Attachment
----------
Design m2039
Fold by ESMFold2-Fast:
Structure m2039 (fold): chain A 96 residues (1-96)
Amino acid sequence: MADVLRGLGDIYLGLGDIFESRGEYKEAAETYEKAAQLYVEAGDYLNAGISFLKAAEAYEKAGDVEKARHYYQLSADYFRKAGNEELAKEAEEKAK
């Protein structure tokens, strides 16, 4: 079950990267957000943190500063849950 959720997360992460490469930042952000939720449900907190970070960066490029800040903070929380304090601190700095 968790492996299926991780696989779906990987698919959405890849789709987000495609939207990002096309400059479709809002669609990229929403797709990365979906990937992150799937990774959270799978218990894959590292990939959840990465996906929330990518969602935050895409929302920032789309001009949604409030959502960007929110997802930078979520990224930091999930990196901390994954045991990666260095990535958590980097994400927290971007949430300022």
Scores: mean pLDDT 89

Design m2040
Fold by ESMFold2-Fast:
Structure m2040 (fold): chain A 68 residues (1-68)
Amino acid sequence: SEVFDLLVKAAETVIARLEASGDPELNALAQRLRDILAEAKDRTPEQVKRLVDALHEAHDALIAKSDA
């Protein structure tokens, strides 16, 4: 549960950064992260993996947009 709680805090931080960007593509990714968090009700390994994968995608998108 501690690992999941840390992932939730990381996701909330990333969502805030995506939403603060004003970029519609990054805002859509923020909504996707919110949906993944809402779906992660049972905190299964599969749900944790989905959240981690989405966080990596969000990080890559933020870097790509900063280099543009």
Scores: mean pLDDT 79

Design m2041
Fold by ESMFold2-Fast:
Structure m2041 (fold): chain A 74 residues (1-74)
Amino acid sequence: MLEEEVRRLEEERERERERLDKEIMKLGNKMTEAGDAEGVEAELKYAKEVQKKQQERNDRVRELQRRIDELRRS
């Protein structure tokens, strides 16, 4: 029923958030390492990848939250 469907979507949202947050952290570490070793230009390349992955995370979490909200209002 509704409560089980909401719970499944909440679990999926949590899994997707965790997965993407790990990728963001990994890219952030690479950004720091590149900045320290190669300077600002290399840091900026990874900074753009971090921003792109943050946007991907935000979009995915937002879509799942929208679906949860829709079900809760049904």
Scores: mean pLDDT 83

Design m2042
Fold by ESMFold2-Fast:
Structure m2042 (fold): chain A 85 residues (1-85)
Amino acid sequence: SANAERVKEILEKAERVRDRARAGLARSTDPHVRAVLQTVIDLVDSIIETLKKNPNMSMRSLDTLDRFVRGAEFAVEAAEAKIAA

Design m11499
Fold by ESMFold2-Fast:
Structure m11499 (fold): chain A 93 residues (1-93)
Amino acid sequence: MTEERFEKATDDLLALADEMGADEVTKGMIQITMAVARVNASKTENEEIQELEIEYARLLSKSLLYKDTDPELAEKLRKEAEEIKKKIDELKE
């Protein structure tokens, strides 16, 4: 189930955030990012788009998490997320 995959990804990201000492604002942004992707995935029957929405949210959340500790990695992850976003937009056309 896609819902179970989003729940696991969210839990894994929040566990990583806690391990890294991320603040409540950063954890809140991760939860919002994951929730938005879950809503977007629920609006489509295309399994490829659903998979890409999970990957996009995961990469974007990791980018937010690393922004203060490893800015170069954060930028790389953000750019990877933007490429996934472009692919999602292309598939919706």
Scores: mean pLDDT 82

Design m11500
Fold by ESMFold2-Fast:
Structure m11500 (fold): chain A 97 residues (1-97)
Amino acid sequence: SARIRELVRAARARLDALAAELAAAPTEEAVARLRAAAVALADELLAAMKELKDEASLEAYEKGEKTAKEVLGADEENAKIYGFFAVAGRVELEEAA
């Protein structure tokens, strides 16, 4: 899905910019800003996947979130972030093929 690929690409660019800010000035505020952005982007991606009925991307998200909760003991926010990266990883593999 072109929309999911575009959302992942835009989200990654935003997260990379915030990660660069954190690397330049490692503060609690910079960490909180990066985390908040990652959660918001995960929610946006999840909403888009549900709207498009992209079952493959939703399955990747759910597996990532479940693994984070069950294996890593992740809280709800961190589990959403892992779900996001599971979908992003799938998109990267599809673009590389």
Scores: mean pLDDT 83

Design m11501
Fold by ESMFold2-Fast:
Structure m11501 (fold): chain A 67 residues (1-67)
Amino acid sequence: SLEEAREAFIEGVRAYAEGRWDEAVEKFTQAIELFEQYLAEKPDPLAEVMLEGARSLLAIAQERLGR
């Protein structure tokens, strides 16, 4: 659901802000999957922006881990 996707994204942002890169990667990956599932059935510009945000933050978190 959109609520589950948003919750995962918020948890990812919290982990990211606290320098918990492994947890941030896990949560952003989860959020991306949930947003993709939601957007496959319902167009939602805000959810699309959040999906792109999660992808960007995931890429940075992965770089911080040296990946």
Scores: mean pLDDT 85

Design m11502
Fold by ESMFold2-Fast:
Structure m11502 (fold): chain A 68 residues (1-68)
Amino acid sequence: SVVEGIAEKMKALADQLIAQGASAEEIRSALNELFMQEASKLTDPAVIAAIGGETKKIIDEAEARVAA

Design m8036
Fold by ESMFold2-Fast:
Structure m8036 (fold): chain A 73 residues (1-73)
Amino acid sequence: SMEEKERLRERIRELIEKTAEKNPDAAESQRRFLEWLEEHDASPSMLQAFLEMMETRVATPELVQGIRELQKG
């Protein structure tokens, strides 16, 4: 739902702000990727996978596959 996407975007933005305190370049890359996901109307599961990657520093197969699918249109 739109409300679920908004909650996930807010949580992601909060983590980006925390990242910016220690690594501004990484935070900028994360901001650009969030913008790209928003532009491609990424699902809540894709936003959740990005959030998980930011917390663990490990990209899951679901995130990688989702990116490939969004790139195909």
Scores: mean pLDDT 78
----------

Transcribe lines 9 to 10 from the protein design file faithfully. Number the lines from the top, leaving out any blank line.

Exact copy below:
Structure m2040 (fold): chain A 68 residues (1-68)
Amino acid sequence: SEVFDLLVKAAETVIARLEASGDPELNALAQRLRDILAEAKDRTPEQVKRLVDALHEAHDALIAKSDA